emergency manualI hate forgetting things, so when I have a bit of information that I absolutely must remember, I write it down. Many people employ the same strategy, yet as my colleague Sara Wykes explains in this edition of Inside Stanford Medicine, medical professionals are often held to unrealistic standards where a list, such as mine, could be mistaken as a sign of weakness.

As David Gaba, MD, associate dean for immersive and simulation-based learning at Stanford, explains in the story, this faulty perception of medical manuals couldn’t be further from the truth. “Many of us strive to emphasize to students, trainees and experienced clinicians that their use is actually a sign of strength and wisdom and that failing to use them is a sign of weakness and perhaps hubris,” said Gaba.

That’s why a team of medical experts from the Stanford Anesthesia Cognitive Aid Group developed an emergency manual for use at Stanford hospitals and other medical facilities. From the story:

It covers protocols for 24 conditions and circumstances. Some, like how to deal with a patient’s bradycardia (a slow and unstable heartbeat), will be familiar only to medical professionals. Others, like how to handle a hospital-wide power failure, address what to do first, and thereafter, in such circumstances.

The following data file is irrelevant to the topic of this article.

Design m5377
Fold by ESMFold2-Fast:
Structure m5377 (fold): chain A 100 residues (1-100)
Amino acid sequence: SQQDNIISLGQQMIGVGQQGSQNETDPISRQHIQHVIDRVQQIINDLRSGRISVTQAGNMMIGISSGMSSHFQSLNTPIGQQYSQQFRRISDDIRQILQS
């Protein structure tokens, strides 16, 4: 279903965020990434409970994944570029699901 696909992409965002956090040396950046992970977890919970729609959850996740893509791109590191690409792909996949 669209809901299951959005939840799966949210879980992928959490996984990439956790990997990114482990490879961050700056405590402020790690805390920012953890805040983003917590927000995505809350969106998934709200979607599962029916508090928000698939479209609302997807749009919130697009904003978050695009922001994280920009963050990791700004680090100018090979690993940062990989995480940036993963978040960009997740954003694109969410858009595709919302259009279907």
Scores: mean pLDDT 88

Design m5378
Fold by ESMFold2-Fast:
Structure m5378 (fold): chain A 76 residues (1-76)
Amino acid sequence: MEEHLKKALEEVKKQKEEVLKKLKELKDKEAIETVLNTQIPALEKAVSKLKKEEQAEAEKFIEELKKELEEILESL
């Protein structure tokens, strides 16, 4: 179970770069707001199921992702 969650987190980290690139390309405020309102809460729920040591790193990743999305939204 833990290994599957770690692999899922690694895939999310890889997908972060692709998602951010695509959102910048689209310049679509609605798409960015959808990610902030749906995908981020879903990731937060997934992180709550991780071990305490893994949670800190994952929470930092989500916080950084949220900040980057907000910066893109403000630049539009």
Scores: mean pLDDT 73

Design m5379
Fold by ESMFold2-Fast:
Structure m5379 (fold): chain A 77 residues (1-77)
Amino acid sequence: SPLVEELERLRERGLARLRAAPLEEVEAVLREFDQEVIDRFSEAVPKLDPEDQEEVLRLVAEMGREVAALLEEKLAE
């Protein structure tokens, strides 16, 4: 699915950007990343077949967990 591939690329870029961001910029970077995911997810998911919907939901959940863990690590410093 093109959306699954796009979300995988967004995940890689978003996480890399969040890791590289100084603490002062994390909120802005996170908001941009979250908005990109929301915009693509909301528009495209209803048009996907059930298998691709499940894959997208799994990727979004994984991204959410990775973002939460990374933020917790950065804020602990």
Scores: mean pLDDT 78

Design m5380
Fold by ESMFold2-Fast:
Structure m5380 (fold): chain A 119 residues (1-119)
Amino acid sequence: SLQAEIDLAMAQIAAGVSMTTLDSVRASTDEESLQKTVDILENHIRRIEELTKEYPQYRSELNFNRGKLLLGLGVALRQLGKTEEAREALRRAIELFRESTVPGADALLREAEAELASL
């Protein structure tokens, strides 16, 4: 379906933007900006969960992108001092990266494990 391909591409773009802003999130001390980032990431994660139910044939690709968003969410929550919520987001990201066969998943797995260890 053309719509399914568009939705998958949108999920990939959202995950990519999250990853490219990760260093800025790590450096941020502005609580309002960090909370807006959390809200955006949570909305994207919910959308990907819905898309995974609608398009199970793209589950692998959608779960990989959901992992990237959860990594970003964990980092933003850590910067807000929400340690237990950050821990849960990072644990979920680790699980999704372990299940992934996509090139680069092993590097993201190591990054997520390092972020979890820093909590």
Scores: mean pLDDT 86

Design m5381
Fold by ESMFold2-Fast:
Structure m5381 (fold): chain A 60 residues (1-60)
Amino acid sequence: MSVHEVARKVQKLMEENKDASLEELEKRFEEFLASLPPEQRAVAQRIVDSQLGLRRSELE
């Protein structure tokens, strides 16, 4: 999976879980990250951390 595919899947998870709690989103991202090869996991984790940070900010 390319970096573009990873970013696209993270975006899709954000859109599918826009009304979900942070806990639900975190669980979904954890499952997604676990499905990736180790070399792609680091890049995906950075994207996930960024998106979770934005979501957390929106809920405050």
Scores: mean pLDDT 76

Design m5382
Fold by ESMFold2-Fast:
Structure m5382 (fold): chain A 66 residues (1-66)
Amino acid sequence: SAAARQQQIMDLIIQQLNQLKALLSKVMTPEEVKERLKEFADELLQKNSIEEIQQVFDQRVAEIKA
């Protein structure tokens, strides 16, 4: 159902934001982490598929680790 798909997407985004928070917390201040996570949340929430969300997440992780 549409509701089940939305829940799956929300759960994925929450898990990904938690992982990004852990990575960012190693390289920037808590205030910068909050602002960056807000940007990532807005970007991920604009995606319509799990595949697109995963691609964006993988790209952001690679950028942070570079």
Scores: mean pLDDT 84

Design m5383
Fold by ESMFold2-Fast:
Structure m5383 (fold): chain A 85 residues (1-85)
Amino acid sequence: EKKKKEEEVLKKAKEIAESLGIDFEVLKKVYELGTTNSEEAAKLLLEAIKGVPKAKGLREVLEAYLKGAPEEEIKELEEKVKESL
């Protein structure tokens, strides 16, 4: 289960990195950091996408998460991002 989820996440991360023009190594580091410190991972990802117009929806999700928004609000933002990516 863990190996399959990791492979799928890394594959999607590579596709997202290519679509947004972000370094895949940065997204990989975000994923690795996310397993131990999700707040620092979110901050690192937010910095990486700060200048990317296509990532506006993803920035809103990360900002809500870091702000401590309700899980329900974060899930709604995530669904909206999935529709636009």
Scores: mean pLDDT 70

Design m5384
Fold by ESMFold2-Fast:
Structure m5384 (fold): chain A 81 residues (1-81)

The development group examined every aspect of the emergency manual, down to details whose importance might not seem immediately obvious, including the colors, typefaces, boldfacing of words, size of pages, binding and physical placement within a working space. Over and over, the implementation team tested the manual in simulation with a full medical team, refining elements based on feedback from its users.

This iterative process provided the Stanford team with critical information that helped them make their manual more effective in an emergency setting. “We learned from simulation testing that it is not enough just to put the manual in the OR… we need to train people to use it,” said Sara Goldhaber-Fiebert, MD, lead author of an Anesthesia & Analgesia paper (subscription required) detailing the work.

“Just the act of training to use the manual promotes team building and communication, which is critical not just in emergencies, but all the time,” agreed Bryan Bohman, MD, the former chief of staff at Stanford Hospital and an anesthesiologist who contributed to the implementation of the Stanford manual.

As Wykes outlines, tangible signs of success emerged after the Stanford team finished training medical professionals to use the manual:

OR nurses requested a second copy be hung near the nursing phone. Computer and anesthesia technicians wanted copies where they work to help them anticipate equipment that might be needed during specific emergencies.